From Count Dracula to Edward Cullen, vampires have been a major reoccurring component of legends and folklore passed around the world for centuries.
In fact, vampire lore has been so ubiquitous across the globe at different times in history, that many regions practiced special burials for people believed to be vampires, so they could not come back to life after death.
One of the earliest recordings of 'blood-drinkers' was from Italy at around 1576. A grave was discovered from this era in 2006. It held the remains of an adult woman that had brick shoved through her teeth and jaw—a known vampire deterring practice for the time.
Believe it or not, Colorado also has its own vampire story that's been passed down through the years.
There's limited information Todor Glava, a man buried in an old cemetery in Lafayette, Colorado, but rumors persist that he may have been a vampire.
What is known is that Glava was an immigrant from Romania who settled in Colorado in the early 1900s. He also reportedly worked as a coal miner during his life, tall, pale, and thin, according to some reports.
Glava later died in December of 1918 during the peak of the Spanish Flu Pandemic, a disease that claimed the lives of an estimated 50 million people worldwide.
Today, his simple, hand-carved headstone reads: Todor Glava born in Transylvania. A single spindly tree grows just behind the headstone.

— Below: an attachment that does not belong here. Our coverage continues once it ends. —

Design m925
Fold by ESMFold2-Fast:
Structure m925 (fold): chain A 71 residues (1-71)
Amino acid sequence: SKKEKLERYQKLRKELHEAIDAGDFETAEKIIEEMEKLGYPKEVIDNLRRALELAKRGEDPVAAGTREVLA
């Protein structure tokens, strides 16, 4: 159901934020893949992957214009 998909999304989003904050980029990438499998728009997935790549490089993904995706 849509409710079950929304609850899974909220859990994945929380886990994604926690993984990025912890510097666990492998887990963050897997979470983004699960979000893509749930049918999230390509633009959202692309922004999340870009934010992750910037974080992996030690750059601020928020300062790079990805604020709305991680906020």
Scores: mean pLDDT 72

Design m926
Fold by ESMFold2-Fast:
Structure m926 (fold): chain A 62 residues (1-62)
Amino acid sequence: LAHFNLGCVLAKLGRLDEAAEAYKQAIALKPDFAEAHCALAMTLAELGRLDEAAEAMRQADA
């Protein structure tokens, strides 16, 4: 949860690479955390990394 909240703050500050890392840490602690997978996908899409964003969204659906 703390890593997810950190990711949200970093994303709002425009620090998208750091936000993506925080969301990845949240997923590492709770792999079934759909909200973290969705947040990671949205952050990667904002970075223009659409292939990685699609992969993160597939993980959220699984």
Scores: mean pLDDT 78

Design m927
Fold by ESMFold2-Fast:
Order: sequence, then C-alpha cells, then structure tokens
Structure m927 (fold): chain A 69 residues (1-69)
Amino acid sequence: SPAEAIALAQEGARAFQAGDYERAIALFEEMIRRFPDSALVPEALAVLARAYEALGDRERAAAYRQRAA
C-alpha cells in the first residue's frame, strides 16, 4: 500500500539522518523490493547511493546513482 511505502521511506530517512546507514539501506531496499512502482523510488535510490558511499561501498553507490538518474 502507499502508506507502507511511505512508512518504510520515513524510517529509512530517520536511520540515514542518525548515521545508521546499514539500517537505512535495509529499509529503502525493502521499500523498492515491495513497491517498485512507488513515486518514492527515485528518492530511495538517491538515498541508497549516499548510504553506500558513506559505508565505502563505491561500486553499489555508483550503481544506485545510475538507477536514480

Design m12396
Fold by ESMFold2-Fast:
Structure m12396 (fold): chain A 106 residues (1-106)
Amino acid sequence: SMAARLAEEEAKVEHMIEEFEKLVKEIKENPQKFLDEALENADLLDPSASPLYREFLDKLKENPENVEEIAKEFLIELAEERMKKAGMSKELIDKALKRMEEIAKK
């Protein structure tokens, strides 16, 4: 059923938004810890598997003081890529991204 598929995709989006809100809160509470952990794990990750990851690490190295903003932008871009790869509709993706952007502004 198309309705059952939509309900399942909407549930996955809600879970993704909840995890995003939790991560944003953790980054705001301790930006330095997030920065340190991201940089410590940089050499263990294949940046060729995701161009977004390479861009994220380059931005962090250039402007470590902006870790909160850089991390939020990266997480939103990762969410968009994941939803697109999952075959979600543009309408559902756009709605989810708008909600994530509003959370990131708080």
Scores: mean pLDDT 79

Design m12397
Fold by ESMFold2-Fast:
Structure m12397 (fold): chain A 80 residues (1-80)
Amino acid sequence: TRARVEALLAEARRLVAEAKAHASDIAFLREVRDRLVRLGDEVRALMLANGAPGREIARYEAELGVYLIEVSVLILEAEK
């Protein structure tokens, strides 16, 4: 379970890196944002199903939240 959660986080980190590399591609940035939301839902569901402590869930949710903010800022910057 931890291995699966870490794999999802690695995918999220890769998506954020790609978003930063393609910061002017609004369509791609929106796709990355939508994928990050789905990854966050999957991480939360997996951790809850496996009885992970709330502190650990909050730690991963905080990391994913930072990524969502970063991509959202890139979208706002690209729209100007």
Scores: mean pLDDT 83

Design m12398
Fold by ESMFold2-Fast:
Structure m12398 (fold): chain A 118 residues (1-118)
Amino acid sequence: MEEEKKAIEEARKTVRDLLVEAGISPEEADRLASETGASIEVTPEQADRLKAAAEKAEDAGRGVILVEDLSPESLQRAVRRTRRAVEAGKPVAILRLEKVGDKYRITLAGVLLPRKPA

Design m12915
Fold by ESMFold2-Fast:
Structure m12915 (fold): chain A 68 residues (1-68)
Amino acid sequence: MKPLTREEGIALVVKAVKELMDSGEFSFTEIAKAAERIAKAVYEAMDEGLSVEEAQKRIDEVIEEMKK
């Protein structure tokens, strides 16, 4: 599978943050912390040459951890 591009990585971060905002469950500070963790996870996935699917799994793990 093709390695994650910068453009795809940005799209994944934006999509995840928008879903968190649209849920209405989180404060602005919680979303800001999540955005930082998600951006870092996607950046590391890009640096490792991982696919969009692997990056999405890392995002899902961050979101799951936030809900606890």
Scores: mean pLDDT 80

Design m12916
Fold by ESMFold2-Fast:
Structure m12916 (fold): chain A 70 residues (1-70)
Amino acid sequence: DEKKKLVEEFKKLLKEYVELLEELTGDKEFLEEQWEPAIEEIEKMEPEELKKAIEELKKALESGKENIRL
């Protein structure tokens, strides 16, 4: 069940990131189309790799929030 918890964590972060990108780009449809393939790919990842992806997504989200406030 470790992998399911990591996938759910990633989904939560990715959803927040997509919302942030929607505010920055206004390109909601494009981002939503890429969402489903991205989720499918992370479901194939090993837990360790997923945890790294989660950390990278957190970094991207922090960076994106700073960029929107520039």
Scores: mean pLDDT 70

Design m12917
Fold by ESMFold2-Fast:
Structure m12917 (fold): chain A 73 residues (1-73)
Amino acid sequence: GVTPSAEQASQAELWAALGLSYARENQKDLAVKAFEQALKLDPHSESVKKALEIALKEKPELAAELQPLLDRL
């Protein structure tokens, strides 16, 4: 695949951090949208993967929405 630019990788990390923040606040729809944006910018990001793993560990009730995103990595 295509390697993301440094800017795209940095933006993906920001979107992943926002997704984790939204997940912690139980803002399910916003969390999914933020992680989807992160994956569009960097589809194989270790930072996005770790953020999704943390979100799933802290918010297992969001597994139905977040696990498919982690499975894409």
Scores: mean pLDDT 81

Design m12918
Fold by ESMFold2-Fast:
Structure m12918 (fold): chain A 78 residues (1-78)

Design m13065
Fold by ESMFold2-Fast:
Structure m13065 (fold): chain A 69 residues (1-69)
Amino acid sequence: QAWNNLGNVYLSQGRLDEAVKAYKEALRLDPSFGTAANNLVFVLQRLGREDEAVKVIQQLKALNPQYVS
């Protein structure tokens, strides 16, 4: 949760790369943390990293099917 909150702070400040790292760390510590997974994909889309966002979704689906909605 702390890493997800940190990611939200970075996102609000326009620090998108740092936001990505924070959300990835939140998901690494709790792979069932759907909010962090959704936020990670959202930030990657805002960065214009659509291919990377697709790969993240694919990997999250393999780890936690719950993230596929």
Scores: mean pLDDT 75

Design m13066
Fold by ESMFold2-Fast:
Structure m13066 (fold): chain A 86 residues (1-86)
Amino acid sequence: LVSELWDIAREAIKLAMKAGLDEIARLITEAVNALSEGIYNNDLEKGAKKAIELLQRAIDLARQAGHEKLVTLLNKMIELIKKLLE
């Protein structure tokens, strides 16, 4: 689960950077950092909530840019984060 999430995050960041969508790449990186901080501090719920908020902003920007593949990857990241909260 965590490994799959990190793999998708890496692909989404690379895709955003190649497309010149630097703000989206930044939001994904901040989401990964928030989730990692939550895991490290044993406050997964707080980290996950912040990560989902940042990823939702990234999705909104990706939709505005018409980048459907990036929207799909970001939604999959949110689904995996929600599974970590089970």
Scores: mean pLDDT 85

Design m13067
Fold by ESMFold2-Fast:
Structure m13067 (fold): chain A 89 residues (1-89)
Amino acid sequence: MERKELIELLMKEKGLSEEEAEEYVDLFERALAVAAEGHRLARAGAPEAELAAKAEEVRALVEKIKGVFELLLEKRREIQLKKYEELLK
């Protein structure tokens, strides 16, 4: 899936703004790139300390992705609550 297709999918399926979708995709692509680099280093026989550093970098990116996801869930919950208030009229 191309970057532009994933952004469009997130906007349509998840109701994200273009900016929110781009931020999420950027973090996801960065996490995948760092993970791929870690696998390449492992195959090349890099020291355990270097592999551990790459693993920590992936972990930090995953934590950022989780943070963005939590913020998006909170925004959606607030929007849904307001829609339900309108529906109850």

Sometime after his death, the rumors begin to fly that Todor was something more sinister than met the eye.
Local stories even suggest that the townspeople later dug up Todor's body and found that his teeth were abnormally long, the he had blood on and in his mouth, and his fingernails never stopped growing.
They came to the conclusion that Todor must be awaking from the dead to feast on the blood of the people of Lafayette. They promptly staked his heart, an attempt to ensure that he would not come back to life again. Granted, there is no recorded evidence to substantiate this story.
The tale goes on to say that the tree growing near his plot originally sprouted from the stake and that the nearby rose bushes are his finger nails, still growing from the casket.
“The one constant in the evolution of vampire legend has been its close association with disease,” writes Mark Collins Jenkins in his book Vampire Forensics.
In a time when information on how diseases spread was not common knowledge, it may have been easier for people to create a villain that they understood and could blame for death and illness.
In turn, it may have granted them a sense of control over their lives by protecting themselves from "vampires" instead of facing what was much more deadly at the time – the Spanish Flu.
In hindsight, evidence points to Todor Glava being an innocent man whose death got wrapped up in town conspiracies that were potentially rooted in stereotypes about Transylvanians.
Along with the story comes a history of supernatural sightings at Todor's gravesite. A tall, dark figure believed to be the spirit of Todor Glava has been reported lingering around stone on occasion ever since.
What do you think? Was Todor Glava an innocent man, or is it possible that he was actually a vampire? Let us know in the comments below.
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